OTHER INTERESTING INFORMATION:
IUCN SSC Amphibian Specialist Group (2020). "Amalops wenshanensis." The IUCN Red List of Threatened Species 2020: e.T50928774A50928633. https://dx.doi.org/10.2305/IUCN.UK.2020-3.RLTS.T50928774A50928633.en. Accessed on 6 February 2023.
Pham, C.T., Le, M.D., Hoang, C.V., Pham, A.V., Ziegler, T., Nguyen, T.Q. (2019). "First records of Bufo luchunnicus (Yang et Rao, 2008) and Amolops wenshanensis Yuan, Jin, Stuart et Wu, 2018 (Anura: Bufonidae, Ranidae) from Vietnam." Russian Journal of Herpetology, 27(2), 81-86. [link]
Yuan, Z., Jin, J., Li, J., Stuart, B.L., Wu, J. (2018). "A new species of cascade frog (Amphibia: Ranidae) in the Amolops monticola group from China Authors." Zootaxa, 4415(3). [link]
Originally submitted by: Madeline Ahn (2023-02-15)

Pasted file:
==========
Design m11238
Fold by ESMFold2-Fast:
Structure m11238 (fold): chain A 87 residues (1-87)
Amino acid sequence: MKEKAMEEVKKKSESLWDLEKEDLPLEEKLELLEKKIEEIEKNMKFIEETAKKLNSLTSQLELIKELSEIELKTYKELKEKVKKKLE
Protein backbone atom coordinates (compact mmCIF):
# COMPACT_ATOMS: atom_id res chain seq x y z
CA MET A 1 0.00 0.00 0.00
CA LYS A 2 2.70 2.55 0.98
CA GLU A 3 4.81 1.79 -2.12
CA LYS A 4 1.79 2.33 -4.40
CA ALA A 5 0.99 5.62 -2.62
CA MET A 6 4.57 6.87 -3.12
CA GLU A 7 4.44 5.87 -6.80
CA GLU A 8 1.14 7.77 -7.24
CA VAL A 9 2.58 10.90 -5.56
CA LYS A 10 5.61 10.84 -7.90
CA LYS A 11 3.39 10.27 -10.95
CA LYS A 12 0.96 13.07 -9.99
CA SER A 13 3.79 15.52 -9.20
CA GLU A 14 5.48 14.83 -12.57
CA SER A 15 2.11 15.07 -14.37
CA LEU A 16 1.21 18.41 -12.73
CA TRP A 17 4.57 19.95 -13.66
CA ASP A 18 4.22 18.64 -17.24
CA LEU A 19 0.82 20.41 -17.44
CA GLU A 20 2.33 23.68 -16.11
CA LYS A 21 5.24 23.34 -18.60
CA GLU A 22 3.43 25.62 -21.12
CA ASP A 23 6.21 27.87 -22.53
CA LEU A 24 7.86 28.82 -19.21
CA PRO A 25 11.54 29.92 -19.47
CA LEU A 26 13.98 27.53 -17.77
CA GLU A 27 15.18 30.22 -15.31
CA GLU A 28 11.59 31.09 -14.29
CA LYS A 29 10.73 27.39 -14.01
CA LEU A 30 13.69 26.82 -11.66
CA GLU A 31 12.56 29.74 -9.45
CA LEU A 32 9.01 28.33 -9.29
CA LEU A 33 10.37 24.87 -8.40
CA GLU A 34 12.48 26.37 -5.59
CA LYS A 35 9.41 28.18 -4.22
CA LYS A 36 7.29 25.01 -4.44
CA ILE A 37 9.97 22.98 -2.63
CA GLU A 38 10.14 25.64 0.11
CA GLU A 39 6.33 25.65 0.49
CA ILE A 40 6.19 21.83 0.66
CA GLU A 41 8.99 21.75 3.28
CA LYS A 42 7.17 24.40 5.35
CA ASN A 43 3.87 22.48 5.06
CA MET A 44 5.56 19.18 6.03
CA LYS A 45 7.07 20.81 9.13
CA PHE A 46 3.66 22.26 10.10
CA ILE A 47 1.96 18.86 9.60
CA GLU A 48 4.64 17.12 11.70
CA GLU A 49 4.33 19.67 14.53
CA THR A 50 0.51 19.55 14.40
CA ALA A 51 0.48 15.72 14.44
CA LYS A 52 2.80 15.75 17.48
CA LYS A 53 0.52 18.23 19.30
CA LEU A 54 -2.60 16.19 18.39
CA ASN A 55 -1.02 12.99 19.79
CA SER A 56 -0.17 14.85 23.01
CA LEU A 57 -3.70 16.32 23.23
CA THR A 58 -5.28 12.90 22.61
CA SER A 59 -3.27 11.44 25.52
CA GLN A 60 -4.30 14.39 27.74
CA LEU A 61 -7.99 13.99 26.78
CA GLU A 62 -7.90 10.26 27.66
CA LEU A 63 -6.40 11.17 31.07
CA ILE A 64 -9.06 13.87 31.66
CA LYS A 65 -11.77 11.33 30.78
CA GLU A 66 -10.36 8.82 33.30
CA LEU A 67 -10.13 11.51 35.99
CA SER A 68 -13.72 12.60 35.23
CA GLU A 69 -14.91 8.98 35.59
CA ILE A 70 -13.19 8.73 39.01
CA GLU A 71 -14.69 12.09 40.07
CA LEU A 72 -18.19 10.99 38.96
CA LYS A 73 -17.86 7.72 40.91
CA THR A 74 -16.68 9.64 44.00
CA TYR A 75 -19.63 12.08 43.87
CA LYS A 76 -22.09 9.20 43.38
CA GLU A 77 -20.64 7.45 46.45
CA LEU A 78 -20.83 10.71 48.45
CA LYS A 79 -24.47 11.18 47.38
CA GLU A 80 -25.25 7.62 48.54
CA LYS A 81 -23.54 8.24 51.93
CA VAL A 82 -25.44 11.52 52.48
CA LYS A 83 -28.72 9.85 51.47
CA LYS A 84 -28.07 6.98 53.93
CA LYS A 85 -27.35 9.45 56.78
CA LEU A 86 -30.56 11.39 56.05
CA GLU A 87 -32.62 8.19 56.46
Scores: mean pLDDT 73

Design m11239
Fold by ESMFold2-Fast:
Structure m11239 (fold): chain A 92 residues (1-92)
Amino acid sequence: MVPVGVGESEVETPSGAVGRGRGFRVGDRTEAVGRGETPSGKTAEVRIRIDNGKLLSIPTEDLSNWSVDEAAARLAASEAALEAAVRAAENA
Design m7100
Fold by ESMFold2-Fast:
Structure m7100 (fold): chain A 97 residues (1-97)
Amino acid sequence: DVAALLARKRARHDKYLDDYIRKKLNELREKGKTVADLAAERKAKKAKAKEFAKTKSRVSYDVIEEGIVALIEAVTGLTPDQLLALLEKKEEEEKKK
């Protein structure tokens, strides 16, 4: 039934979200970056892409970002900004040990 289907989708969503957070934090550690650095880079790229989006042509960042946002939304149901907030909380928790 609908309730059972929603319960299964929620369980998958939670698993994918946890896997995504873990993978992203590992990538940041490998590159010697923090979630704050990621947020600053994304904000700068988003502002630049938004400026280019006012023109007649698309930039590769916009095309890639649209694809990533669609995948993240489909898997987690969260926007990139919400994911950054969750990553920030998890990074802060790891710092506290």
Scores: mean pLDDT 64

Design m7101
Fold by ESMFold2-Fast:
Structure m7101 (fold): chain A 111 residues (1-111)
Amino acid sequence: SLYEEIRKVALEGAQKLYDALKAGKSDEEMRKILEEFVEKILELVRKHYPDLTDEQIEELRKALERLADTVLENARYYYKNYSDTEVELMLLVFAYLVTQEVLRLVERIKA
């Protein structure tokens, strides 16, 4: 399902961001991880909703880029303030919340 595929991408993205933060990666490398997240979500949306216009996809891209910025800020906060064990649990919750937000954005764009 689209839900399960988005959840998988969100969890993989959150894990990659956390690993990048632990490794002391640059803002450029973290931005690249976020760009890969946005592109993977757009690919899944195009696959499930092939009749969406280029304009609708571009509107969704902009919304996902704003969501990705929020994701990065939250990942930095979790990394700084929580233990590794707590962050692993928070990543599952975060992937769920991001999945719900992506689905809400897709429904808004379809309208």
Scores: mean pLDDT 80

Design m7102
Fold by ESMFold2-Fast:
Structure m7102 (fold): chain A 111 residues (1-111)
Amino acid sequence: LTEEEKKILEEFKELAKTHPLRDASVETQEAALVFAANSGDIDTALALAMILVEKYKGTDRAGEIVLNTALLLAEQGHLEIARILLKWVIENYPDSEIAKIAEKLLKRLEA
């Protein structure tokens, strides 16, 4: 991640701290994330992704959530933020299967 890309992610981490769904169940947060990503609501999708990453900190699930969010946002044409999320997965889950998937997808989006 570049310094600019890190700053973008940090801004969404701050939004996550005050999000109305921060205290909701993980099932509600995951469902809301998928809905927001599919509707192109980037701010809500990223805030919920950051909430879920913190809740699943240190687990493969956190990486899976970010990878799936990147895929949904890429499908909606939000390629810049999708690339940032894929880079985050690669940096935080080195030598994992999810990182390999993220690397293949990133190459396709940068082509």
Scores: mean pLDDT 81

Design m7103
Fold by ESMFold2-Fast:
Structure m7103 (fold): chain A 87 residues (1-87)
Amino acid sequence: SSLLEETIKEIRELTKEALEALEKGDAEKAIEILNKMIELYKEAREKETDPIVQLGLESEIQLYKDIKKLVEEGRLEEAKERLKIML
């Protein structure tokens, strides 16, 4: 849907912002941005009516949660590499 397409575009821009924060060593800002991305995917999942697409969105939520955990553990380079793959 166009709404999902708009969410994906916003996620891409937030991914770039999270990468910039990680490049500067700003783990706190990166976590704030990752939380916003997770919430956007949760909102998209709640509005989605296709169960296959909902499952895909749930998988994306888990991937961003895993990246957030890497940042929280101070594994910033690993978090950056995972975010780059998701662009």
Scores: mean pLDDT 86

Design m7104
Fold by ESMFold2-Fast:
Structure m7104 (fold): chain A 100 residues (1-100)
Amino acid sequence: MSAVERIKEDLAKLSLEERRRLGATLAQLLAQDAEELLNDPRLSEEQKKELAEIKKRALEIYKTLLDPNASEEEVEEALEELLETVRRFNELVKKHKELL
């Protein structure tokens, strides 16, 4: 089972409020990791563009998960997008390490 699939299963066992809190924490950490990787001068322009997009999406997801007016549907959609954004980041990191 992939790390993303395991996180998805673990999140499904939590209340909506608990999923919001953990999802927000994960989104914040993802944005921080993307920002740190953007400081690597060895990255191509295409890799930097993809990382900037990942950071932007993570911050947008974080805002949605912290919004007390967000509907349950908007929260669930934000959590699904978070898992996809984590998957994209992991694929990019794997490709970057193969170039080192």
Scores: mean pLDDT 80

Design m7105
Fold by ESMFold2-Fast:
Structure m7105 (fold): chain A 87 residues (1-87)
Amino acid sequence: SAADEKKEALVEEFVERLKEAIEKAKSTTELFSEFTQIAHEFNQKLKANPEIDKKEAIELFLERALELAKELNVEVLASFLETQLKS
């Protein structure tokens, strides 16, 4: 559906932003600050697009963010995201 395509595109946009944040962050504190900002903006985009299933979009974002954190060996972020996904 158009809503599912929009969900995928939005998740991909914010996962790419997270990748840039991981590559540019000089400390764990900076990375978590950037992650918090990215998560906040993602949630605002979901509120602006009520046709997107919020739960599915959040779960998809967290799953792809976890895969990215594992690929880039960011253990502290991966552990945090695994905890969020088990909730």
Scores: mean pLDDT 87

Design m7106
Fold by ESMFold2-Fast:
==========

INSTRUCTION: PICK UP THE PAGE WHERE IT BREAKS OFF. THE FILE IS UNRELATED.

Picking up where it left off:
Description by: Madeline Ahn (updated 2023-02-15)
Distribution by: Madeline Ahn (updated 2023-02-15)
Life history by: Madeline Ahn (updated 2023-02-15)
Larva by: Madeline Ahn (updated 2023-02-15)
Trends and threats by: Madeline Ahn (updated 2023-02-15)
Relation to humans by: Madeline Ahn (updated 2023-02-15)
Comments by: Madeline Ahn (updated 2023-02-15)
Edited by: Ann T. Chang (2023-02-15)
Species Account Citation: AmphibiaWeb 2023 Amolops wenshanensis: Wenshan Cascade Frog <https://amphibiaweb.org/species/8826> University of California, Berkeley, CA, USA. Accessed Mar 23, 2023.
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Citation: AmphibiaWeb. 2023. <https://amphibiaweb.org> University of California, Berkeley, CA, USA. Accessed 23 Mar 2023.